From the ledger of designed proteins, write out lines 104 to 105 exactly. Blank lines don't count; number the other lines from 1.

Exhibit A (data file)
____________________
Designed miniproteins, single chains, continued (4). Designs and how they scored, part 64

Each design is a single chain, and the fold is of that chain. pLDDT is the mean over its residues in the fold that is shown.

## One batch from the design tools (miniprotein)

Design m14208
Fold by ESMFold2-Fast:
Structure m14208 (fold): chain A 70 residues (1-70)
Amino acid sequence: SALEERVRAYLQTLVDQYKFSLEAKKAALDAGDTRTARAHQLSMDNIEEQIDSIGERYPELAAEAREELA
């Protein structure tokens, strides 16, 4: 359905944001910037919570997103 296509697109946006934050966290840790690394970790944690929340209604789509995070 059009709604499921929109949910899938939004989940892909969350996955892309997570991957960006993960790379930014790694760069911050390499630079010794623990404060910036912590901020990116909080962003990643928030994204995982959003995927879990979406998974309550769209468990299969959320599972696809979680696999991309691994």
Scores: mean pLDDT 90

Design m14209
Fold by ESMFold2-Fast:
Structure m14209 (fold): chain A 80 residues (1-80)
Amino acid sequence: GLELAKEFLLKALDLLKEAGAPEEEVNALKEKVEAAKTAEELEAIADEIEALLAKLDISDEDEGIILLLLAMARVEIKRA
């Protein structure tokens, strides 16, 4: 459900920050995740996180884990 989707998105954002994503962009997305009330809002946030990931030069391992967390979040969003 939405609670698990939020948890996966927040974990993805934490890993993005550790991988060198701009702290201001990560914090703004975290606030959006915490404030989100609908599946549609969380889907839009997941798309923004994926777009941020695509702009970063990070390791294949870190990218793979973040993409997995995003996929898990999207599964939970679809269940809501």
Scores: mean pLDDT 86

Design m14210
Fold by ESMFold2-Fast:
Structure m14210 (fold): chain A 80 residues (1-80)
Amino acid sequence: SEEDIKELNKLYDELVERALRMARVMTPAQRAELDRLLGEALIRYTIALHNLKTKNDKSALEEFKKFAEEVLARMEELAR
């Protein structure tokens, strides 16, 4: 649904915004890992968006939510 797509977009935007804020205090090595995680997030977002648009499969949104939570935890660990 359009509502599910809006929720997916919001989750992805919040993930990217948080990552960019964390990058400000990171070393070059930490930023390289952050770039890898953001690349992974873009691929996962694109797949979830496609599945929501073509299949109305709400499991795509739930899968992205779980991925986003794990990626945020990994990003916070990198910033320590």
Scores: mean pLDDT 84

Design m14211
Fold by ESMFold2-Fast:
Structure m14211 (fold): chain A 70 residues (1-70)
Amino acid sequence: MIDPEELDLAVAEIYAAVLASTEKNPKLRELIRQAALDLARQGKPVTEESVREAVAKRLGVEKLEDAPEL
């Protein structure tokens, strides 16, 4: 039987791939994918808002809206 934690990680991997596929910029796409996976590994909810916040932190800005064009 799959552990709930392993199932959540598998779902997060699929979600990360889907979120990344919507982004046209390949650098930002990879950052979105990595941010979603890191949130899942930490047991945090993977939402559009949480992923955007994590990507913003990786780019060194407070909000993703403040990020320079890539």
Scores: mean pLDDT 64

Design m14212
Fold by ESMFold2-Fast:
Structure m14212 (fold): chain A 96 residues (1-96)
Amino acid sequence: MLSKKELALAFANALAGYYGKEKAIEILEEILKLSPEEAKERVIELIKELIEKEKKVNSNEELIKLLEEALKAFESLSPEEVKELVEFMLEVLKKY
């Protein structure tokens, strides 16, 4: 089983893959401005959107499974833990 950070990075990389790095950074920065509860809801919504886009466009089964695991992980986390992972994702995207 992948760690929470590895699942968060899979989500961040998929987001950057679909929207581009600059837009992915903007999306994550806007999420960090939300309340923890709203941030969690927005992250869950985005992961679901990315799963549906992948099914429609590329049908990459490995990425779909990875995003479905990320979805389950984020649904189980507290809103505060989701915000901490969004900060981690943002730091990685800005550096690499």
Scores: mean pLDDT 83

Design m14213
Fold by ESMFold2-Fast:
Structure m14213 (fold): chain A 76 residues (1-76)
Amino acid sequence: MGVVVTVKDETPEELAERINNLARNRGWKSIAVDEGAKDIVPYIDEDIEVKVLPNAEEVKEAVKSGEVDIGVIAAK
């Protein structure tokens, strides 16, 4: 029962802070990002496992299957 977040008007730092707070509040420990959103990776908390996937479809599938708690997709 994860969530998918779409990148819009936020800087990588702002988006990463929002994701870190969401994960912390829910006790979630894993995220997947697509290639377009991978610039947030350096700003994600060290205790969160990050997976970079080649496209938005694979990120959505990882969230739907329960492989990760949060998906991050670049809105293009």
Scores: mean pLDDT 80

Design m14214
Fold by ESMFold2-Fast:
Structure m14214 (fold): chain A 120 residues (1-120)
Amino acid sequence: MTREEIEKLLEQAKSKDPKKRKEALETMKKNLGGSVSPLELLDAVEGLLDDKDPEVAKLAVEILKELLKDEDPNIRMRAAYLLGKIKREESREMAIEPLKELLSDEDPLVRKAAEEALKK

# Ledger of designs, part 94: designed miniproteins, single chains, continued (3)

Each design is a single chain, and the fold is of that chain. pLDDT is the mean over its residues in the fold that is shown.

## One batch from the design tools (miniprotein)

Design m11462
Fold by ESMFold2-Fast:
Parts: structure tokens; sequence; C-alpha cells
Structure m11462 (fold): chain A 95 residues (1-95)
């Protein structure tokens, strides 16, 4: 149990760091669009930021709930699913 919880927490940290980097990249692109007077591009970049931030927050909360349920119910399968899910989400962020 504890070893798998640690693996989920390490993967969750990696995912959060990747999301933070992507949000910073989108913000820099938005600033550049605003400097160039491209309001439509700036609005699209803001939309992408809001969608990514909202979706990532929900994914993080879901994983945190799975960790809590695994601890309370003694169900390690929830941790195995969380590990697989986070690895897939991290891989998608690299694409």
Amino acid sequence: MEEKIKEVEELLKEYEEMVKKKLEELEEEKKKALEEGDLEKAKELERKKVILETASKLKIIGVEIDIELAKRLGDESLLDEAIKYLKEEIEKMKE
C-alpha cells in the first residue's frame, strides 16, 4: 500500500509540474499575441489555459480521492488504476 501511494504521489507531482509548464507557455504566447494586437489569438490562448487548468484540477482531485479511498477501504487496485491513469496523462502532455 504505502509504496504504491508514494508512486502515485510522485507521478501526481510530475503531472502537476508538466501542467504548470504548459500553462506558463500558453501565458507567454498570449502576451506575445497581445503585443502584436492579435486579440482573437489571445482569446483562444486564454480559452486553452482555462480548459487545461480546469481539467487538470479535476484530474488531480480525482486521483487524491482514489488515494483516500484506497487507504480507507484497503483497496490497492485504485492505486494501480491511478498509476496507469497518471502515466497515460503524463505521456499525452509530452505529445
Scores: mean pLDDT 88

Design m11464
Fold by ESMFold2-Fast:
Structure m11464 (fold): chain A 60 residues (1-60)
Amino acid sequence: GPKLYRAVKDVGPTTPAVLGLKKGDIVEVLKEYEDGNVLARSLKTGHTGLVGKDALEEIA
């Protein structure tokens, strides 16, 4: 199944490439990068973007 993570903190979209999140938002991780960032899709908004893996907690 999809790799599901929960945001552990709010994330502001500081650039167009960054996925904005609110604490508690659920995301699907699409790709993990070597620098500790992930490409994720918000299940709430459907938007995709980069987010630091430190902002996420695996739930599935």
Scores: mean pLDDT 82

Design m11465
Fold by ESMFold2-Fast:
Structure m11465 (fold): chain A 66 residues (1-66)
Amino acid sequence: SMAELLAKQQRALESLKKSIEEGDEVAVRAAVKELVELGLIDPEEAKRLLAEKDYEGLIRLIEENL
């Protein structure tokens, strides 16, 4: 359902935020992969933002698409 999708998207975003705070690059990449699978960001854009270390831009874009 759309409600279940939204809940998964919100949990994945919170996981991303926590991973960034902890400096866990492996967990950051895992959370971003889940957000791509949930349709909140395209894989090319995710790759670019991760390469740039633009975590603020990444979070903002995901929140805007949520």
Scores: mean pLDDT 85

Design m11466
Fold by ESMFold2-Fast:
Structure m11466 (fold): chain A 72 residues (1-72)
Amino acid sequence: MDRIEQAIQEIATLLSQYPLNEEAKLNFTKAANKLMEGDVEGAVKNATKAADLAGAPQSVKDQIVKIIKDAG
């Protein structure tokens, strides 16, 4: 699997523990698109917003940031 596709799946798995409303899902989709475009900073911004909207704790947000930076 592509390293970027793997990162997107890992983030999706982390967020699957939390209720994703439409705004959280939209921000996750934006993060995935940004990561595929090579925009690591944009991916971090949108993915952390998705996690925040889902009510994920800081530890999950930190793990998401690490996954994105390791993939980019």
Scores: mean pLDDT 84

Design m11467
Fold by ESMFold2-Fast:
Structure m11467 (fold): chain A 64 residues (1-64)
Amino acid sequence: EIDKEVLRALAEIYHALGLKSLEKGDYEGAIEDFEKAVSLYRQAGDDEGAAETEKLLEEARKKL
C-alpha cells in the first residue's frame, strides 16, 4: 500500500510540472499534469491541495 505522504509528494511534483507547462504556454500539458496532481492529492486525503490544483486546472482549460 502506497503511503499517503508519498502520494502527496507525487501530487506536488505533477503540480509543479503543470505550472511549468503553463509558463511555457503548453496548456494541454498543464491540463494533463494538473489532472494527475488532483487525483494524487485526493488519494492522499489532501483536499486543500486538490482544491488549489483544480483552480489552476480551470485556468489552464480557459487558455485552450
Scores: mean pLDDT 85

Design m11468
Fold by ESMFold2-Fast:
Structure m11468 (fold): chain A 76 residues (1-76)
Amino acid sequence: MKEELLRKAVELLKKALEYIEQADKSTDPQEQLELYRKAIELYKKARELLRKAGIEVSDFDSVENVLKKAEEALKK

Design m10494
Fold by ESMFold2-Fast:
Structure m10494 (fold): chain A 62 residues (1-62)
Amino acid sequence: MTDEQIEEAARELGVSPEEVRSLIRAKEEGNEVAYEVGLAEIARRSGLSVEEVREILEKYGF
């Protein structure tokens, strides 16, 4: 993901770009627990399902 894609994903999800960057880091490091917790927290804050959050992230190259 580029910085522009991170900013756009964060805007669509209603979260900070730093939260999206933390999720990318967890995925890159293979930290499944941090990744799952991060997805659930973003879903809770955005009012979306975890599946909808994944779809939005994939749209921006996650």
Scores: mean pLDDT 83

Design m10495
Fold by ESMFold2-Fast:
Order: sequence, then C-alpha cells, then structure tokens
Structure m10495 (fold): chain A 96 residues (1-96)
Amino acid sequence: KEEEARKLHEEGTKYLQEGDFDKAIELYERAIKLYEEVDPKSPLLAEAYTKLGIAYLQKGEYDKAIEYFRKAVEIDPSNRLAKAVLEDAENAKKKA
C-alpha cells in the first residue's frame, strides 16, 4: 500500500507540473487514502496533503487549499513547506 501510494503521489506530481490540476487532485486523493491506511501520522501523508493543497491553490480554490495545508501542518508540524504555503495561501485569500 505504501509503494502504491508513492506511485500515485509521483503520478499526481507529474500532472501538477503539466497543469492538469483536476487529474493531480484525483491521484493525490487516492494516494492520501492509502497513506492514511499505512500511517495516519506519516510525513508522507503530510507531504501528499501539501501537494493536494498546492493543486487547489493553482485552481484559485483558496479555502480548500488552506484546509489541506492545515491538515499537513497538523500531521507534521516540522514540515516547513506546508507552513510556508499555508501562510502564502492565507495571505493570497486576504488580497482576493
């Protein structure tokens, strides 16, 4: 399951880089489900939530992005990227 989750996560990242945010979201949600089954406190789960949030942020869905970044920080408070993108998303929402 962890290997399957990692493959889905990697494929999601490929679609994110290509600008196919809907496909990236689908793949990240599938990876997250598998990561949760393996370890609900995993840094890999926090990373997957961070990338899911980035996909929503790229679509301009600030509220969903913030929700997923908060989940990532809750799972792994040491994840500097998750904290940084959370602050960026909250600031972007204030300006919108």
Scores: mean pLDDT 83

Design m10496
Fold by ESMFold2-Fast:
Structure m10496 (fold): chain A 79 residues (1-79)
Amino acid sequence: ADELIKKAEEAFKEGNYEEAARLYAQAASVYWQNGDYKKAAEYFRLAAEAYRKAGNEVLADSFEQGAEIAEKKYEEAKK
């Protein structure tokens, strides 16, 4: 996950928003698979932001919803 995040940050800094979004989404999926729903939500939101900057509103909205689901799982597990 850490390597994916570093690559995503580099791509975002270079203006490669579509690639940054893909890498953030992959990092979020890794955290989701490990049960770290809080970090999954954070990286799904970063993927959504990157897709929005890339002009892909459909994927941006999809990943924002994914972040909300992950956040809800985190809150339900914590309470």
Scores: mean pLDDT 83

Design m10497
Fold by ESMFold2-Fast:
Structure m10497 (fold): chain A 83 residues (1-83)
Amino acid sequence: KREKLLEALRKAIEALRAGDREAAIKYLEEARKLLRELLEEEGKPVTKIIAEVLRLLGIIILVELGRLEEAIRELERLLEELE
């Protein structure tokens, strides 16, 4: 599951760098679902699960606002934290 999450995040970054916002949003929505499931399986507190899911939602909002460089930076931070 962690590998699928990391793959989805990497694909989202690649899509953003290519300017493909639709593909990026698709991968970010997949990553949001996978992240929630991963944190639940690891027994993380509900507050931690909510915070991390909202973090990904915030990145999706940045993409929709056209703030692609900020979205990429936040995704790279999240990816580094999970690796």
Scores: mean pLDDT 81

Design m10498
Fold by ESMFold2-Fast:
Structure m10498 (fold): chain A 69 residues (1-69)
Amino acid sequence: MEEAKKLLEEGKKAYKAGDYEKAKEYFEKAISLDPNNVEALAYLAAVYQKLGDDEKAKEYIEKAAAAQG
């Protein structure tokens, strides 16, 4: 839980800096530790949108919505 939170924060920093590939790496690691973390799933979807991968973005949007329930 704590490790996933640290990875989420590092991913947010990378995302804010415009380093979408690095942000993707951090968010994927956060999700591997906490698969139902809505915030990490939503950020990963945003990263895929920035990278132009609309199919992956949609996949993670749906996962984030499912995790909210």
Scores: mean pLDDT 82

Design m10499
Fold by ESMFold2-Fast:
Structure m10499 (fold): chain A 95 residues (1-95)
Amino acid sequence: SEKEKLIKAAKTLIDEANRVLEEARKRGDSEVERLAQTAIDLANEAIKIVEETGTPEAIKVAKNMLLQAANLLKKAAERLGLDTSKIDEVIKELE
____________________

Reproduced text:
Fold by ESMFold2-Fast:
Structure m10497 (fold): chain A 83 residues (1-83)